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Germanophilia

 

Germanophilia

A Germanophile or Teutophile[1] is a person who is fond of German culture, German people, and Germany in general,[2][3] or even exhibits German nationalism – so to speak – in spite of not being an ethnic German or a German citizen. This love of the German way, called "Germanophilia" or "Teutonophilia", is opposite to Germanophobia.

History

The term was especially in use in the 19th to 20th centuries after the creation of the German nation state and the rise of the German Empire, it is used not only politically but also culturally; for example Slavoj Žižek refers to the geographical triad of Europe as being England (utilitarian pragmatism), France (revolutionary hastiness) and Germany (reflective thoroughness).[4]

In 19th-century British romanticism, the term's antonym was Scandophile, expressing a dichotomy of associating Anglo-Saxon culture either with continental West Germanic culture, or with North Germanic (Scandinavian) culture (the "Viking revival"). The term was also used in opposition to Hellenophile, an affinity to "Teutonic" or Germanic culture and worldview as opposed to a predilection for Classical Antiquity.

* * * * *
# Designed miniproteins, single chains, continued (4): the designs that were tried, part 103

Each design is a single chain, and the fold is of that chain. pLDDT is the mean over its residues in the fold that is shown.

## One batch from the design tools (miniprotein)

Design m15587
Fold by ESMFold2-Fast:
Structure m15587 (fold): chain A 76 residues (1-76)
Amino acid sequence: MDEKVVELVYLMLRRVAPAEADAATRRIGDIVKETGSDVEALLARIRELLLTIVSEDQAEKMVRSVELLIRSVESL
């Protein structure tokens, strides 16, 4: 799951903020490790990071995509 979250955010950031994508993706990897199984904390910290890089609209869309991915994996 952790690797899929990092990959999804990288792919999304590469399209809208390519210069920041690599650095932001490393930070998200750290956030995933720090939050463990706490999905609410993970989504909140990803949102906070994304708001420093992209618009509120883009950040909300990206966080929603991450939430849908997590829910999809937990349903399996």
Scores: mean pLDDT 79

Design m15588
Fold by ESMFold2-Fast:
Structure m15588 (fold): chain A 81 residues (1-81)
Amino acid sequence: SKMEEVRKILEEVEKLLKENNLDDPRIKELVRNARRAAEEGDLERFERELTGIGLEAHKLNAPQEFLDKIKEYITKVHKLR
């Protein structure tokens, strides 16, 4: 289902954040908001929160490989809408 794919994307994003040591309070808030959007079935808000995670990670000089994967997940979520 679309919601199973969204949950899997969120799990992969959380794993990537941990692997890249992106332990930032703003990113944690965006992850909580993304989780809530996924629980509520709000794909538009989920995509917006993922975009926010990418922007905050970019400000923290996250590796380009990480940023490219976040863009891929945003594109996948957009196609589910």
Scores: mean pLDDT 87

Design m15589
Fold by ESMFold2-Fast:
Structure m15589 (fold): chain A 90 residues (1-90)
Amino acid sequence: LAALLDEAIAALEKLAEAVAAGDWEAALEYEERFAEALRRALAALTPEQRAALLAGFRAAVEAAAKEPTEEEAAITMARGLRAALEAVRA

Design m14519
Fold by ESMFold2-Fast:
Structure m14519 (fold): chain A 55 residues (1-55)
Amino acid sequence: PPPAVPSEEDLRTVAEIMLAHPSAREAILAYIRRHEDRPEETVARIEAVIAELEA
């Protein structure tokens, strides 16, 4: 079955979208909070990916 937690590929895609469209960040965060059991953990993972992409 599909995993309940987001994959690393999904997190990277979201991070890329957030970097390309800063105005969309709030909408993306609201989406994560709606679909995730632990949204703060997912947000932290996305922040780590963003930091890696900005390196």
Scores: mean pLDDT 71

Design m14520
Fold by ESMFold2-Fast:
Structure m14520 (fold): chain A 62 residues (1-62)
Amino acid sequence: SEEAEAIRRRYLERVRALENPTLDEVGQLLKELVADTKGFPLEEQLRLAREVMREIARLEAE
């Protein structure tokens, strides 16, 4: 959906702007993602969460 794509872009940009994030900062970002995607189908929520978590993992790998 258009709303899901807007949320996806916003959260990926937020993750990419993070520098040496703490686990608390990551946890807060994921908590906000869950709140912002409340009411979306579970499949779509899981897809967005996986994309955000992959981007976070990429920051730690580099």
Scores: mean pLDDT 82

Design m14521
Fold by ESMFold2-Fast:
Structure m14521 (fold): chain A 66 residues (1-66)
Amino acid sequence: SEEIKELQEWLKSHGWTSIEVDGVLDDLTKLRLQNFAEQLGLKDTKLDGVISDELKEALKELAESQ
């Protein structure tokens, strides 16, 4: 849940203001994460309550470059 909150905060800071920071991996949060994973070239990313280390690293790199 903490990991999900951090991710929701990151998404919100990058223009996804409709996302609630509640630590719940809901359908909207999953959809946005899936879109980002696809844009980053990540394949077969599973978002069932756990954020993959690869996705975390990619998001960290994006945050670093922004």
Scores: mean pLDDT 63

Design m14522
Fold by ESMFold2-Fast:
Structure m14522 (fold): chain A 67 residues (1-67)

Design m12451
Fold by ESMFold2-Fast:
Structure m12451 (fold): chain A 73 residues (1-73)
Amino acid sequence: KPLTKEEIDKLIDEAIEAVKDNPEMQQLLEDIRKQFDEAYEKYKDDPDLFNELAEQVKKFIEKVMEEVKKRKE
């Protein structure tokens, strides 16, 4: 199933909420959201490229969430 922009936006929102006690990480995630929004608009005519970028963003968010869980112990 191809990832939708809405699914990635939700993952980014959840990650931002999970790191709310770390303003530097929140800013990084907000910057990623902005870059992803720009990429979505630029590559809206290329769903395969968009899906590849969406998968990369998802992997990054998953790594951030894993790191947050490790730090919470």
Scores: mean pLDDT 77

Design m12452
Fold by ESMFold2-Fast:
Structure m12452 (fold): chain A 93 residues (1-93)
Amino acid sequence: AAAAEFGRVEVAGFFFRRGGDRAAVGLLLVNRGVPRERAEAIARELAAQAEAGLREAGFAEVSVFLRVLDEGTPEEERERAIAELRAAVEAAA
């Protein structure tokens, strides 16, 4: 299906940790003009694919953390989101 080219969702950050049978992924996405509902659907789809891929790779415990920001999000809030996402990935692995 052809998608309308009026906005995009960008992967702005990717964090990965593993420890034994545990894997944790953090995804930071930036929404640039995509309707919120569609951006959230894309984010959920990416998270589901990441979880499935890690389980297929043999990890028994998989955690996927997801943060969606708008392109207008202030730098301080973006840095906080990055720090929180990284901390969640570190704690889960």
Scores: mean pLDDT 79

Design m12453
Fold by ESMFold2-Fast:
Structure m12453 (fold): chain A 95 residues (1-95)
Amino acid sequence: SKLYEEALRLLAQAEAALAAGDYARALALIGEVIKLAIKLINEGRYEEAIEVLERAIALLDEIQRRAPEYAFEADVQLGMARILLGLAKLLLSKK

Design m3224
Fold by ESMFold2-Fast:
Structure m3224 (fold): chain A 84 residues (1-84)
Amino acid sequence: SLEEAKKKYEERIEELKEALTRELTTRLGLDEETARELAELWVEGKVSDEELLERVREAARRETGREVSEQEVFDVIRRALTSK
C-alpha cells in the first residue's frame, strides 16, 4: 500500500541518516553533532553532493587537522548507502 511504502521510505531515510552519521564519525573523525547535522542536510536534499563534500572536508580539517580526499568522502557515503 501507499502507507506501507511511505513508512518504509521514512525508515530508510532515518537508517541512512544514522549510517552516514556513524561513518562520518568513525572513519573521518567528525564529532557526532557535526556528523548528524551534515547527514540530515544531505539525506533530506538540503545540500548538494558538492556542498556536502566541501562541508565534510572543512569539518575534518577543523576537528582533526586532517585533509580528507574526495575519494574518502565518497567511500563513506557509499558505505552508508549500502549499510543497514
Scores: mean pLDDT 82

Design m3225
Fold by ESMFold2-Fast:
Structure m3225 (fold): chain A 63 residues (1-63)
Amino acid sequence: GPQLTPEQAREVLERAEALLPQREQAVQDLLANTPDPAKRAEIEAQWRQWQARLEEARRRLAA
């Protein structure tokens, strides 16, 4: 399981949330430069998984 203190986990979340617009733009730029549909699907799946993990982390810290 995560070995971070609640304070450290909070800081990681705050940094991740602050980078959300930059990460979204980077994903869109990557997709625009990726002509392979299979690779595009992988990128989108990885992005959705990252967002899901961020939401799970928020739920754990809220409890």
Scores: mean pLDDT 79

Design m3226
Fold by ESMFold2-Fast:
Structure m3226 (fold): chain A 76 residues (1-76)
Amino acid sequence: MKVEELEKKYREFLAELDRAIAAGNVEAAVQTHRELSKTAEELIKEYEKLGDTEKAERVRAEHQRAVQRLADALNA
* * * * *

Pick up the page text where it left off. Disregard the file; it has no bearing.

In 19th-century continental Europe, the dichotomy was rather between Germany and France, the main political players of the period, and a Germanophile would choose to side with Germany, against French or "Romance" interests taken to heart by a Francophile. The corresponding term relating to England is Anglophile, an affinity that was in turn often observed in early 20th-century Germans choosing to side against France.

This term was also popularly used in the 20th century to refer to the German educational system formed by Wilhelm von Humboldt, which was leading at that time, and served as a model for many elite universities around the world from Oslo to Harvard.

See also

Further reading

  • Peter Watson: The German Genius: Europe's Third Renaissance, the Second Scientific Revolution, and the Twentieth Century, Harper Perennial, ISBN 978-0060760236
  • Walter John Morris: John Quincy Adams, Germanophile, Pennsylvania State University, 1963
  • Arthur Coleman Danto, Jean-Marie Schaeffer and Steven Rendall: Art of the Modern Age: Philosophy of Art from Kant to Heidegger, Princeton University, 2000

References

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